Students Design Quilt Exhibit in Downtown Lancaster

  • Six students, led by Associate Professor of Art History Amelia Rauser, researched, designed and curated THE GRID at the Lancaster Quilt & Textile Museum. (Photos courtesy of the Heritage Center of Lancaster County)

In a new exhibit at the Lancaster Quilt & Textile Museum, several Franklin & Marshall students have patched together an eclectic blend of 1980s fashion and traditional Amish culture—with a healthy dose of the liberal arts.

A joint project between F&M and the museum has produced THE GRID: Amish Quilts, Esprit Clothing and Postmodern Design, which opened in downtown Lancaster on March 4. Six students, led by Associate Professor of Art History Amelia Rauser, researched, designed and curated the exhibit. In addition to artifacts from 1980s fashion and culture, the exhibit features the Esprit collection of Amish quilts, representing the influence of traditional Amish craft on Esprit design (Esprit is a global manufacturer of apparel, accessories and other items). The exhibit will run through December.

“The exhibition is an opportunity to see how quilts made here in Lancaster had a stylistic influence on a much broader swath of art and design in the 1980s,” Rauser says. “As we prepared for the exhibition, we also learned a lot about quilts and the role they have played in American life.”

The partnership between F&M and the museum began when Rauser met Wendy Nagle, director of the Heritage Center of Lancaster County, at a focus group on the F&M campus last year. Nagle suggested the idea of an exhibit, and Rauser designed a fall course around the subject titled Quilts as Fashion. Students in the course included Sabrina Brown ’13, Ferry Foster ’11, Jayati Khanna ’13, Brittany Pipa ’11, Chelsea Troppauer ’11, and Stephanie Tzarnas ’13.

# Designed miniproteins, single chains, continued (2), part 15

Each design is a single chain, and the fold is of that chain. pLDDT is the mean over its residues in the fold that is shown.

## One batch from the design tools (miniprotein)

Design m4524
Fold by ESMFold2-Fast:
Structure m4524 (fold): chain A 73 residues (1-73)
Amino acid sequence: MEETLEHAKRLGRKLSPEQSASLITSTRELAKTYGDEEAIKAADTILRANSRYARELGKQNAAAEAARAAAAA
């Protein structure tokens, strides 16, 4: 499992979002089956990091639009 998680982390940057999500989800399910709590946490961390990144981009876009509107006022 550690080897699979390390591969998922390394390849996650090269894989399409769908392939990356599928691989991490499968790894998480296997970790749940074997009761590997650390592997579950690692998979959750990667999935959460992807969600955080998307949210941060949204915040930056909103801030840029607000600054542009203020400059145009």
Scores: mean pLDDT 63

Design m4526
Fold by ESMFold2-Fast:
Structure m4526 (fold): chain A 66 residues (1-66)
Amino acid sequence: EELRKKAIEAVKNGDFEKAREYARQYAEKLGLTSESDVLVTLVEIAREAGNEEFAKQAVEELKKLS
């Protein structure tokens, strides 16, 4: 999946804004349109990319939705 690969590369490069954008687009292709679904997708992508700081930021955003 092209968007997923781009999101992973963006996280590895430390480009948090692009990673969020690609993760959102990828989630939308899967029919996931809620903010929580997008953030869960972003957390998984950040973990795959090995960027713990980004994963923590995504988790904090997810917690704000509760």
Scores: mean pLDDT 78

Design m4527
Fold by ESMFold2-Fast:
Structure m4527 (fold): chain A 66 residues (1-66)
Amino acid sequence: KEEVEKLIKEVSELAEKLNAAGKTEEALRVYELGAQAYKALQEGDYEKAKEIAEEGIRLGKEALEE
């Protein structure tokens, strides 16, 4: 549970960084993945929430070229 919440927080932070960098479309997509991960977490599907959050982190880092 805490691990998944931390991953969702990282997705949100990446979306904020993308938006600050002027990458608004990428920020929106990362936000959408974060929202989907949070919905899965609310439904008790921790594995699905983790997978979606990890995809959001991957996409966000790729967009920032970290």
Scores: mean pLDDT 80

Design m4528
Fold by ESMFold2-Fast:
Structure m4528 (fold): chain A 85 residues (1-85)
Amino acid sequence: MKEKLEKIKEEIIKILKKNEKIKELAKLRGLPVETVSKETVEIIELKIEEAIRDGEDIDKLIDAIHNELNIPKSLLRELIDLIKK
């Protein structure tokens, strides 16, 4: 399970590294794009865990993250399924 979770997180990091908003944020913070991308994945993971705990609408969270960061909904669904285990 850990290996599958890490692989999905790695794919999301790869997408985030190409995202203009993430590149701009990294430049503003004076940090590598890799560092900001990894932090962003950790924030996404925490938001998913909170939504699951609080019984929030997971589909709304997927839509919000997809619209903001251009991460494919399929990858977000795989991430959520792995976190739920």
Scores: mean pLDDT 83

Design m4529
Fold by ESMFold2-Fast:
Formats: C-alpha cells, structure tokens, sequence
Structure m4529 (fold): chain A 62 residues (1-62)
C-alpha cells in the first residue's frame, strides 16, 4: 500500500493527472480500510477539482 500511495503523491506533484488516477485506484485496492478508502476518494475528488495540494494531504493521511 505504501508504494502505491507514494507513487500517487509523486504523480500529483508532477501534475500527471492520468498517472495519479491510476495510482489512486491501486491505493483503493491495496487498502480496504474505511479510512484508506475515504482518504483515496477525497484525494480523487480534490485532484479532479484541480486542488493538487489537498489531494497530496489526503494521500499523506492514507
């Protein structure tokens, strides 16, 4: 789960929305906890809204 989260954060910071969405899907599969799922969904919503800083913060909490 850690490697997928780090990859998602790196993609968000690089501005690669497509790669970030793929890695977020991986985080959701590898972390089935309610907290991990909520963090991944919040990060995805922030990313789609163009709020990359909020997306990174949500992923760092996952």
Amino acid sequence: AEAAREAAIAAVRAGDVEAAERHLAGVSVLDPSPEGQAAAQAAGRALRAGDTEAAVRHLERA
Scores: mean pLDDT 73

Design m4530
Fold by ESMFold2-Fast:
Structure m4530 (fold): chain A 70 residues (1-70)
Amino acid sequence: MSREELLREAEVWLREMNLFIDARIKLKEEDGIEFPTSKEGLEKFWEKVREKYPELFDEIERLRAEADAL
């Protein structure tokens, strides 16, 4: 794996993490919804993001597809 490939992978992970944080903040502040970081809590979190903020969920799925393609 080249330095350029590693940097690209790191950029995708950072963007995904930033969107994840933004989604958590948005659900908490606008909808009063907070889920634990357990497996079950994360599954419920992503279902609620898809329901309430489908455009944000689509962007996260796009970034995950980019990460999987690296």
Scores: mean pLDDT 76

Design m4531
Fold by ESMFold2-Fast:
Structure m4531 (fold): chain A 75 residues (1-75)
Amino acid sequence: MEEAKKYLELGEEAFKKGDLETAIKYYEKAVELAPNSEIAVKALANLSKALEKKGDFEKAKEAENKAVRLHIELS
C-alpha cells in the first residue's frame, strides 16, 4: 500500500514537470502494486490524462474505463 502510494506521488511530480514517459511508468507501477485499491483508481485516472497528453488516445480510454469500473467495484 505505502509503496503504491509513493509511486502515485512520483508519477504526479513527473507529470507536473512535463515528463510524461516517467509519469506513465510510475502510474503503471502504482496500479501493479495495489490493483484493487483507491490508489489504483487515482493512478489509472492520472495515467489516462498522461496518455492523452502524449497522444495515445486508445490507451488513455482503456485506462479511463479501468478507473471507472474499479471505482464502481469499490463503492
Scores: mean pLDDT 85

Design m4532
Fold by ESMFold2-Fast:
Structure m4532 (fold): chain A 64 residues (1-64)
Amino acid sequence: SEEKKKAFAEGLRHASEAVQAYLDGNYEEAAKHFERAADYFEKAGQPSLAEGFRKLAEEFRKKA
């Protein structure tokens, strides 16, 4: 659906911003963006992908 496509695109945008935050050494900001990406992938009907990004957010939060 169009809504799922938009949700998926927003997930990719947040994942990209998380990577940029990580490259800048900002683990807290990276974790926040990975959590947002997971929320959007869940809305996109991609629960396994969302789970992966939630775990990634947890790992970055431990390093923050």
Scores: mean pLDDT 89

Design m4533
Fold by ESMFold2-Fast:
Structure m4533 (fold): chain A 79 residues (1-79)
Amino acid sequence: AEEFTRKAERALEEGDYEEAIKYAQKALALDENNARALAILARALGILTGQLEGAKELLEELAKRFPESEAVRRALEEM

Quilts in the exhibition were displayed in the Esprit headquarters in San Francisco during the 1980s. The Heritage Center, which owns and operates the museum, purchased the quilts from Esprit co-founder Doug Tompkins in 2000.

“When avant-garde art became much more geometric and abstract in the 1960s, many artists and art critics suddenly started to see Amish quilts as great examples of abstract art,” Rauser says. “Doug Tompkins viewed these quilts at a landmark 1971 Whitney Museum show, and began to collect them as great examples of American abstraction. They inspired some of the geometry and color relationships in Esprit design.”

During Rauser’s course in the fall, the students worked in pairs to plan various aspects of the exhibit. Two students—Foster and Pipa—continued the project this semester by fabricating and installing the exhibit during independent studies.

“From the beginning of last semester to now, it’s nothing like I imagined it would be,” Pipa says. “The best part has been building the exhibit week to week, and watching the walls come to life.”

Foster says it was a challenge to include so much information in one space; if a viewer missed one connection, Foster worried that the whole show might be a mystery.

“The biggest challenge was to communicate an idea that most people wouldn’t believe right away—that Amish quilts influenced fashion and postmodern design of the 1980s,” Foster says. “We had to present the history of quilts in the art world, their connection to the Esprit clothing company, and Esprit’s connection to postmodern design, along with proof of a visual connection.”

The students are pleased with the final result, and hope viewers leave the exhibit having learned something new about postmodern art and fashion.

“This was the first time quilts were viewed as pieces of art,” Pipa says. “It was a real turning point.”

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